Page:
As I broach my word limit, I realize that I have no conclusive point for which to strive in this article, and that perhaps I never did. But should all writing have a point? Does life ever truly end nicely reach a conclusive ending? Is there a point to our existence? Why then, should there be a point to this musing?
For the answer to these questions, we need not look too far. Only to the next passer-by with a beard.

Post Script: A few days after the article was written, we came across the website of the official Beard Team USA„¢, which is apparently competing for the United States at the World Beard and Moustache Championships. I quote:

"Beard Team USA competes for the United States at the biennial World Beard and Moustache Championships.  Our primary goal is to promote the worldwide appreciation of beards and moustaches.  Other goals include making the United States competitive in the WBMC, promoting and publicizing the WBMC, and facilitating the attendance of members and others at the championships.  We have great fun making new friends from our own and other countries."

The site advertises that the team is currently recruiting for new members and welcomes both genders.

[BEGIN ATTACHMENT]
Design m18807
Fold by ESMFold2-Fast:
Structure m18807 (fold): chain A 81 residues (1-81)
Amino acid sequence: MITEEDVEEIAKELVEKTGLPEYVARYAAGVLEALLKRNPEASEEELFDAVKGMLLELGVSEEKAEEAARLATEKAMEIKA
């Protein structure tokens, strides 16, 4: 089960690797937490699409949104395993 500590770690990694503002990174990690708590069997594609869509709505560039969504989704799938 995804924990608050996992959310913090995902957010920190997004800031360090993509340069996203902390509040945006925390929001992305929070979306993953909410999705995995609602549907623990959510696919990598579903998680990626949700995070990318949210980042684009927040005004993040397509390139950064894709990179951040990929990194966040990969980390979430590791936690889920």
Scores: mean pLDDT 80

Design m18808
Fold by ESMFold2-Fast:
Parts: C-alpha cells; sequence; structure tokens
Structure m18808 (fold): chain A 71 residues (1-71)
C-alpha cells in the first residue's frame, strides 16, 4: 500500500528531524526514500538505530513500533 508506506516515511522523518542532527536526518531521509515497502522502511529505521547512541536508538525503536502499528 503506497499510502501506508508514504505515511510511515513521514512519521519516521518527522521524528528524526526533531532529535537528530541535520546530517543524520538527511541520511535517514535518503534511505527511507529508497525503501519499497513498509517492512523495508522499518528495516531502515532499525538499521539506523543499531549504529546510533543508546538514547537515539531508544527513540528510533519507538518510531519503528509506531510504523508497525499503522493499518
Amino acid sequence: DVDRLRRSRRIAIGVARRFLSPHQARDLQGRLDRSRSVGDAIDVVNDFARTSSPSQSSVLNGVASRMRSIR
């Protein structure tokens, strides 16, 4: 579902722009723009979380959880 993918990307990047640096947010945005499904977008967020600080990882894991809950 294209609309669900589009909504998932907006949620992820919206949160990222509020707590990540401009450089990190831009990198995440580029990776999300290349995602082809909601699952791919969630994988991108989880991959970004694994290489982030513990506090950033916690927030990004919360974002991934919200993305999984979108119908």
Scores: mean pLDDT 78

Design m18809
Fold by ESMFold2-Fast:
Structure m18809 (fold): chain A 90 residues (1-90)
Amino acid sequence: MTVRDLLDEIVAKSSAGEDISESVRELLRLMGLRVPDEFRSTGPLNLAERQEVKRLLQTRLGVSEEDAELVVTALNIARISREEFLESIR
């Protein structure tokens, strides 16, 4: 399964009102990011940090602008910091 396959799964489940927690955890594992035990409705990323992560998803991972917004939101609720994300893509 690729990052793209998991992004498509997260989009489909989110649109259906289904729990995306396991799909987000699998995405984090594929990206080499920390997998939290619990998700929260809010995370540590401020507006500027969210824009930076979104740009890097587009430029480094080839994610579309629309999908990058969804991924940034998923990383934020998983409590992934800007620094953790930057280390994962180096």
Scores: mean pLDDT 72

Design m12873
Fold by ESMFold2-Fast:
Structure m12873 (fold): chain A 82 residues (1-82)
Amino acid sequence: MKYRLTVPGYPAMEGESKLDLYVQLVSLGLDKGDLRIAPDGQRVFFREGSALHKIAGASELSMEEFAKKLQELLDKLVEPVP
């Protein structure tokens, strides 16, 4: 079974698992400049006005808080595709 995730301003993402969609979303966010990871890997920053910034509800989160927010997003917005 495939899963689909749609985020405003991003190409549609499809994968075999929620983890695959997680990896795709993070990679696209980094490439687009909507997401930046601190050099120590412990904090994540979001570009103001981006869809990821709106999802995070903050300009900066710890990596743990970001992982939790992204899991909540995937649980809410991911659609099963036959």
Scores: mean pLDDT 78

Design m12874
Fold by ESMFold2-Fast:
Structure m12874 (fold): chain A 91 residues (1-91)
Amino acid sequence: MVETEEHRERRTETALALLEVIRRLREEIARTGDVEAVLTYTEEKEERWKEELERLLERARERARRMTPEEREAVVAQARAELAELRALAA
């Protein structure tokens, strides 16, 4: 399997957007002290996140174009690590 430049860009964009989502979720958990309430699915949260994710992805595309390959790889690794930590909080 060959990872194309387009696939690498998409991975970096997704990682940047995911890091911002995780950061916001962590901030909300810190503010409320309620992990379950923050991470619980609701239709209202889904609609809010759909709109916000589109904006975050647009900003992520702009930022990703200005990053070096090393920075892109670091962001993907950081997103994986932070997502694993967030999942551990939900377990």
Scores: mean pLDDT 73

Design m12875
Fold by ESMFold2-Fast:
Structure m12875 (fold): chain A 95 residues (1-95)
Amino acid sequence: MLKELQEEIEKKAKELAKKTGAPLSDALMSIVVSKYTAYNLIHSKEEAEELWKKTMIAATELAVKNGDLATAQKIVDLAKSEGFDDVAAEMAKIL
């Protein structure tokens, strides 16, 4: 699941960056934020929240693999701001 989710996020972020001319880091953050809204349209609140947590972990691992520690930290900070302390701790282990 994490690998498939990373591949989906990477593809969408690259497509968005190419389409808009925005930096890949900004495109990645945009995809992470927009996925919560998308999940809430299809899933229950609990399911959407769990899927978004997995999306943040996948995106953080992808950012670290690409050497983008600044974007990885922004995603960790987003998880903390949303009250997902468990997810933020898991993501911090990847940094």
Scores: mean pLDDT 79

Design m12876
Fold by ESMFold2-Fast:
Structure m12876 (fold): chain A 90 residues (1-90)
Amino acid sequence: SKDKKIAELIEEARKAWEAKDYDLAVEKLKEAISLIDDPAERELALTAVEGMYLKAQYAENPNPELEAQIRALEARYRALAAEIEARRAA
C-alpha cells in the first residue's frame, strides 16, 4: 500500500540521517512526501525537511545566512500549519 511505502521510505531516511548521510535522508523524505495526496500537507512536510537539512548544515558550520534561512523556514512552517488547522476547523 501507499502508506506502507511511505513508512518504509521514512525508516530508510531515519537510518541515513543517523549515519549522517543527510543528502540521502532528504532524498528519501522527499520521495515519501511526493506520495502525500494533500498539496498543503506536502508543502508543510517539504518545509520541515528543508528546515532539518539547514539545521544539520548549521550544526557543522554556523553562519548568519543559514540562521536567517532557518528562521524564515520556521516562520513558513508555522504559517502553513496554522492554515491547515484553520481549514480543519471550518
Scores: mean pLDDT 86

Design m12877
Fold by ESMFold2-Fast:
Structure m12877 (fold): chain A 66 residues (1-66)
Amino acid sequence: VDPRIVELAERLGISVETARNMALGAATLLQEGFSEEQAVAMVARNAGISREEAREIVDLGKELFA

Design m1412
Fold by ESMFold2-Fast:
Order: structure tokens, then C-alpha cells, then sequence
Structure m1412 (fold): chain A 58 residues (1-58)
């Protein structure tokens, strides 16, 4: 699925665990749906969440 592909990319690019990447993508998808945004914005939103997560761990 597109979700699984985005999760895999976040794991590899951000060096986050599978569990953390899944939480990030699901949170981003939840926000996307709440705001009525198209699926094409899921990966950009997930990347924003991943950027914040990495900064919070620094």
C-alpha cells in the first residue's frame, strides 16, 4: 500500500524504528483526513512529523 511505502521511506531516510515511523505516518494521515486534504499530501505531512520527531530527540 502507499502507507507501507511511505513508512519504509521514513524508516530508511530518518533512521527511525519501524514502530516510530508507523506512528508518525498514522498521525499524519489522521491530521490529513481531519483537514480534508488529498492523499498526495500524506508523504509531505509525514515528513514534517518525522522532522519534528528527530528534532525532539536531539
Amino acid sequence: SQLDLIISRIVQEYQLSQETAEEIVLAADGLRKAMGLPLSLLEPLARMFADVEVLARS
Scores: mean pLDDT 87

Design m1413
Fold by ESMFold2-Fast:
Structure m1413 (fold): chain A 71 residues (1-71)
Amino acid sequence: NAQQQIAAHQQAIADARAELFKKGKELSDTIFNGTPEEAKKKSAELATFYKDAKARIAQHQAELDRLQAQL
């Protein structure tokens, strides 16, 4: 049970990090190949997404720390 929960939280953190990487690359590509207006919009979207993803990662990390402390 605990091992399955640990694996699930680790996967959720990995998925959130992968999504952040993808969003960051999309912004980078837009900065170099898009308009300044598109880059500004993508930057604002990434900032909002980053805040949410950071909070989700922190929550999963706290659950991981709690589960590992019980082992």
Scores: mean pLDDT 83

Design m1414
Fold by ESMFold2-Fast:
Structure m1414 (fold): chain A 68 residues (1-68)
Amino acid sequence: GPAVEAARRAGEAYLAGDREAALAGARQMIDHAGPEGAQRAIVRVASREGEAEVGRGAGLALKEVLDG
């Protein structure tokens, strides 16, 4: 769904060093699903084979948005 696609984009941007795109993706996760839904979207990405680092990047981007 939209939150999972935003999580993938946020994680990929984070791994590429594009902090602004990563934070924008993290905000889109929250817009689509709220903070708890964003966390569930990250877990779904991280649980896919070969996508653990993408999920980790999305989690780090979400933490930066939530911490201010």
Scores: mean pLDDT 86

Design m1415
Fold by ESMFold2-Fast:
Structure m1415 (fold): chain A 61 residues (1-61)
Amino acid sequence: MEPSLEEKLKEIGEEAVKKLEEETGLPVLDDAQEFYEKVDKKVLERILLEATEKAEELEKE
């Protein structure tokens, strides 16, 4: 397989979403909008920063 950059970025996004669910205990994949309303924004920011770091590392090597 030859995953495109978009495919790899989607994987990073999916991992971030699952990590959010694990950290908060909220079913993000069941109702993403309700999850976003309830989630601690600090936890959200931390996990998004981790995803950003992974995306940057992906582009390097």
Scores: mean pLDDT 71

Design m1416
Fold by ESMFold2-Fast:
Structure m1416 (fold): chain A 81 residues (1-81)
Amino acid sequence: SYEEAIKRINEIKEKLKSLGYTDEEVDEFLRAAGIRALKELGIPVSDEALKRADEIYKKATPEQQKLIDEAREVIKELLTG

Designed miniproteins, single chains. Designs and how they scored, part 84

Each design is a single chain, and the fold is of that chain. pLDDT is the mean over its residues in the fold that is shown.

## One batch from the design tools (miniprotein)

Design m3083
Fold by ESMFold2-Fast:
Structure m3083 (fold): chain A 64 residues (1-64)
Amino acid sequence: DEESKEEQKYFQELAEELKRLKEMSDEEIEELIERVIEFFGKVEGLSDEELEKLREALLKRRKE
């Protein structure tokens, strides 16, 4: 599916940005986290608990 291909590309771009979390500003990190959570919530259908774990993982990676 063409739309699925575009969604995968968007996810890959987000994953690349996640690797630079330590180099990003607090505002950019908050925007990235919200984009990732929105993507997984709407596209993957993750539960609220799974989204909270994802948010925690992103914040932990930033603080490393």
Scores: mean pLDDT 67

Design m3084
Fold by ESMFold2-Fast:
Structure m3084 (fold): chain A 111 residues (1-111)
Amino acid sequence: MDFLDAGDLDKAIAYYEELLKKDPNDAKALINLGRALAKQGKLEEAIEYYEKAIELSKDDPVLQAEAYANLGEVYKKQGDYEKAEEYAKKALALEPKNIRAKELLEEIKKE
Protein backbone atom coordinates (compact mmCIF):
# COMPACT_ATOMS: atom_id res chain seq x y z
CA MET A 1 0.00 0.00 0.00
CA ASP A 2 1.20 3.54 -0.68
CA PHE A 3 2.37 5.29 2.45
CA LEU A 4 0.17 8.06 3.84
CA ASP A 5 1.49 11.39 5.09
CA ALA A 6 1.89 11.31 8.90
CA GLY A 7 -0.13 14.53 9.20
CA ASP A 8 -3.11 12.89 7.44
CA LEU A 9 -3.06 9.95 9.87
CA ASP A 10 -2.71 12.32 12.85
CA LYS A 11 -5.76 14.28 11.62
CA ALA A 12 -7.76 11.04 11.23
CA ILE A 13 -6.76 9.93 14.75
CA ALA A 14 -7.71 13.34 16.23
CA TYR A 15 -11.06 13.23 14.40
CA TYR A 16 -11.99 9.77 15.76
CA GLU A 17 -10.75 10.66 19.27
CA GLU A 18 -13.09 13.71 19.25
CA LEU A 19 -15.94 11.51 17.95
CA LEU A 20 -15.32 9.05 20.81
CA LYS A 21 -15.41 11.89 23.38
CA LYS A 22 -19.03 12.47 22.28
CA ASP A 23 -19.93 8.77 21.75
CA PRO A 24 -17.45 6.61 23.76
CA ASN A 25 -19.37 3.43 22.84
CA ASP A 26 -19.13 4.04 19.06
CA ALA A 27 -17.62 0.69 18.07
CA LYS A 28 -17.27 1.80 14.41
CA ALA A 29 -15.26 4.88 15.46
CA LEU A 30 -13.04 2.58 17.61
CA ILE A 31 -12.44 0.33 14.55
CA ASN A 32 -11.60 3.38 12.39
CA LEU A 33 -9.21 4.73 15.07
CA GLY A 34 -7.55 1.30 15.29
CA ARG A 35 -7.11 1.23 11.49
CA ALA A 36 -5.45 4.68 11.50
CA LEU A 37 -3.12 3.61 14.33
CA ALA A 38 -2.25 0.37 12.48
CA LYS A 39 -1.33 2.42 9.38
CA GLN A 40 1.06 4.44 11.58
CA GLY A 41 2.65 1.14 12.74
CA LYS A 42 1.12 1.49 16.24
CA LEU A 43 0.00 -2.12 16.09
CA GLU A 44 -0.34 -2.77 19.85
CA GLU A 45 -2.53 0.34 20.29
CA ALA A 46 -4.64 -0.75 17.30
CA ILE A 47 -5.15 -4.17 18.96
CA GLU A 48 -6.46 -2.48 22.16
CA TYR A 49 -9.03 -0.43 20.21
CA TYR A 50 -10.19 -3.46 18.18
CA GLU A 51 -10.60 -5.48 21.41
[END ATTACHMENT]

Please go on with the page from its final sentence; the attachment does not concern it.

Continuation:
When I first saw the site, Arsenio and I spent a good hour mocking the members and their quest for fame by way of unruly whiskers. But as I scrolled down, I learned that the 2005 WBMC held in Berlin, Beard Team USA's Toot Joslin took home the gold in the sideburns category, and while Germany continues to dominate the competition, the US team is slowly and steadily becoming a formidable rival. 21-year-old rookie Jack Passion finished third in the highly competitive full beard natural category, the category many consider the marathon of the WBMC. The team travels the world and pays its members handsomely for their time and training, even in the off-season.

It then occurred to me that my choice of an English major had once again obscured my hopes for excellence and for fame. It appeared that even the Philosophy degree was more practical and marketable than mine.

Well played, Sophocles, well played.